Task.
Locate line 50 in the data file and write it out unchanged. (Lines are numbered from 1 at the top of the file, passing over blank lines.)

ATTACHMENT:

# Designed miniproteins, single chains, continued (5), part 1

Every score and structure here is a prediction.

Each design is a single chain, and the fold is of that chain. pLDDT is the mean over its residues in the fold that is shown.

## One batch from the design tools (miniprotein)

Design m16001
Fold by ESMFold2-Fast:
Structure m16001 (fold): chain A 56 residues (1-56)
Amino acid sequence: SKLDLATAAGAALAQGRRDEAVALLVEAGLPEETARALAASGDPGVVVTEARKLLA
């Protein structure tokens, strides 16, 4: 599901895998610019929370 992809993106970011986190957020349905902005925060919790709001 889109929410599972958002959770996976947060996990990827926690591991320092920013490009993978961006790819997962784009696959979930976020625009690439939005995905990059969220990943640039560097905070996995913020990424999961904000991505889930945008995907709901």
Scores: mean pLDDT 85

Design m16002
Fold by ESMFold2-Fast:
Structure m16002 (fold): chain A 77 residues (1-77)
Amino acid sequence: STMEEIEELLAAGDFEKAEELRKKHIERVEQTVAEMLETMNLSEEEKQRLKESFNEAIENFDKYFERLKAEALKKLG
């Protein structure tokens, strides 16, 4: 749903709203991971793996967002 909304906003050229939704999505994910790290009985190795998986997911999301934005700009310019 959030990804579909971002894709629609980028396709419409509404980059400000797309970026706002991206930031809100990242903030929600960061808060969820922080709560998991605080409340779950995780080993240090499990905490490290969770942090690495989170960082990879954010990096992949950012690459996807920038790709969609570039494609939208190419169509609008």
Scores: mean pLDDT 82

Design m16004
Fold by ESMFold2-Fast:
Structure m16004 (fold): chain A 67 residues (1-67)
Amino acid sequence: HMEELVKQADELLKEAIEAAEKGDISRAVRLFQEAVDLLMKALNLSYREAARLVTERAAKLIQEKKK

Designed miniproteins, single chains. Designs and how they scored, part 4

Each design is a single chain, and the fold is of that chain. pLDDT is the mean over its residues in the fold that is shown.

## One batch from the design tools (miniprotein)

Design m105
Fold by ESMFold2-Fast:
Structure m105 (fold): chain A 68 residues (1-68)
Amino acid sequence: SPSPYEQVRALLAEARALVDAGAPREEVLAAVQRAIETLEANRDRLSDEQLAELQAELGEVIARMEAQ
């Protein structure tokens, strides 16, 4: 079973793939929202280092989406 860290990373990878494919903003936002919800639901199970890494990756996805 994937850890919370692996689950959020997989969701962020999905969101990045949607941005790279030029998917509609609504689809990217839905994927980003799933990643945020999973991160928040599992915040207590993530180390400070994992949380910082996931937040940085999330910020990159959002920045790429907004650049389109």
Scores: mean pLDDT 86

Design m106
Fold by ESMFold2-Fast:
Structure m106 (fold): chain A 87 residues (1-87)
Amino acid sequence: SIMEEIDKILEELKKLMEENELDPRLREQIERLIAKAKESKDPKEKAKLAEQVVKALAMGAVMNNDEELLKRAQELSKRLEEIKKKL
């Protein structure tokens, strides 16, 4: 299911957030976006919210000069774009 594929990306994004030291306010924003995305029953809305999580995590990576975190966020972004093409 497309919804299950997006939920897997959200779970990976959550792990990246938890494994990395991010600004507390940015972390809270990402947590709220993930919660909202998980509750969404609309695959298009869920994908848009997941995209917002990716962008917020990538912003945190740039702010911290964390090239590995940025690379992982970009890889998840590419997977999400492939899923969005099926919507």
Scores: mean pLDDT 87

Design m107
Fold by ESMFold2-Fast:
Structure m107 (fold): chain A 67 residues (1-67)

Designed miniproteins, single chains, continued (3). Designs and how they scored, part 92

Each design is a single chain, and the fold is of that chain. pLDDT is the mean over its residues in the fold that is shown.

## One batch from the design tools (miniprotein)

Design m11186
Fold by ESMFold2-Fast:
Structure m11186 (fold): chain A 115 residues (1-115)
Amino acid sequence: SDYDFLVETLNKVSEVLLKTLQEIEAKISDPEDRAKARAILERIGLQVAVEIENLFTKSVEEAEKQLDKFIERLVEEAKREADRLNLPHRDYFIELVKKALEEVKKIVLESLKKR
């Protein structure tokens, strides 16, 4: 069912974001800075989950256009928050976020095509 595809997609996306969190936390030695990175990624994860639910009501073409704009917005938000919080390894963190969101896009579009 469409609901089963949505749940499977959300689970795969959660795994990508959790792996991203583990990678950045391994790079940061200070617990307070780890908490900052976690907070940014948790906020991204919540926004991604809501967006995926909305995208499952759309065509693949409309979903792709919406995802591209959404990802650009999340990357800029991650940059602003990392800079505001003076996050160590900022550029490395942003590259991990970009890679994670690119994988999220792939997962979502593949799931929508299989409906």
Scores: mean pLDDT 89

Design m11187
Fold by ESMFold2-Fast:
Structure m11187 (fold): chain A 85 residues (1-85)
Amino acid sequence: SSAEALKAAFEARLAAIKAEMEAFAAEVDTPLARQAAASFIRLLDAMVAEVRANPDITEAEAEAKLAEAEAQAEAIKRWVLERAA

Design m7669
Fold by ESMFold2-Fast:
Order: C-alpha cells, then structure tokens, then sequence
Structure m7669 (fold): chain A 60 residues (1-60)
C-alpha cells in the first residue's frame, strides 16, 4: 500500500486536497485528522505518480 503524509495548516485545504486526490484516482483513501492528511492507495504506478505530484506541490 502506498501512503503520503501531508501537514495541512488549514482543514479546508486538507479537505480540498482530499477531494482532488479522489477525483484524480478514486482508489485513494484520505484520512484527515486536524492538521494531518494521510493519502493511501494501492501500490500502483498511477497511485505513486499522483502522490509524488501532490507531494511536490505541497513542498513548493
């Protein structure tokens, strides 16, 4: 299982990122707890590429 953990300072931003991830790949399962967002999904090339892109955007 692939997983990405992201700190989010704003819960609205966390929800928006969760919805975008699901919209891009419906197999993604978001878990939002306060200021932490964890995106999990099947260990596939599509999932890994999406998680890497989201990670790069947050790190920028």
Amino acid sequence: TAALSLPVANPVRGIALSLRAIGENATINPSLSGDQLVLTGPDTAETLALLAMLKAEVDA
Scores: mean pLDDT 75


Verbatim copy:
Structure m11187 (fold): chain A 85 residues (1-85)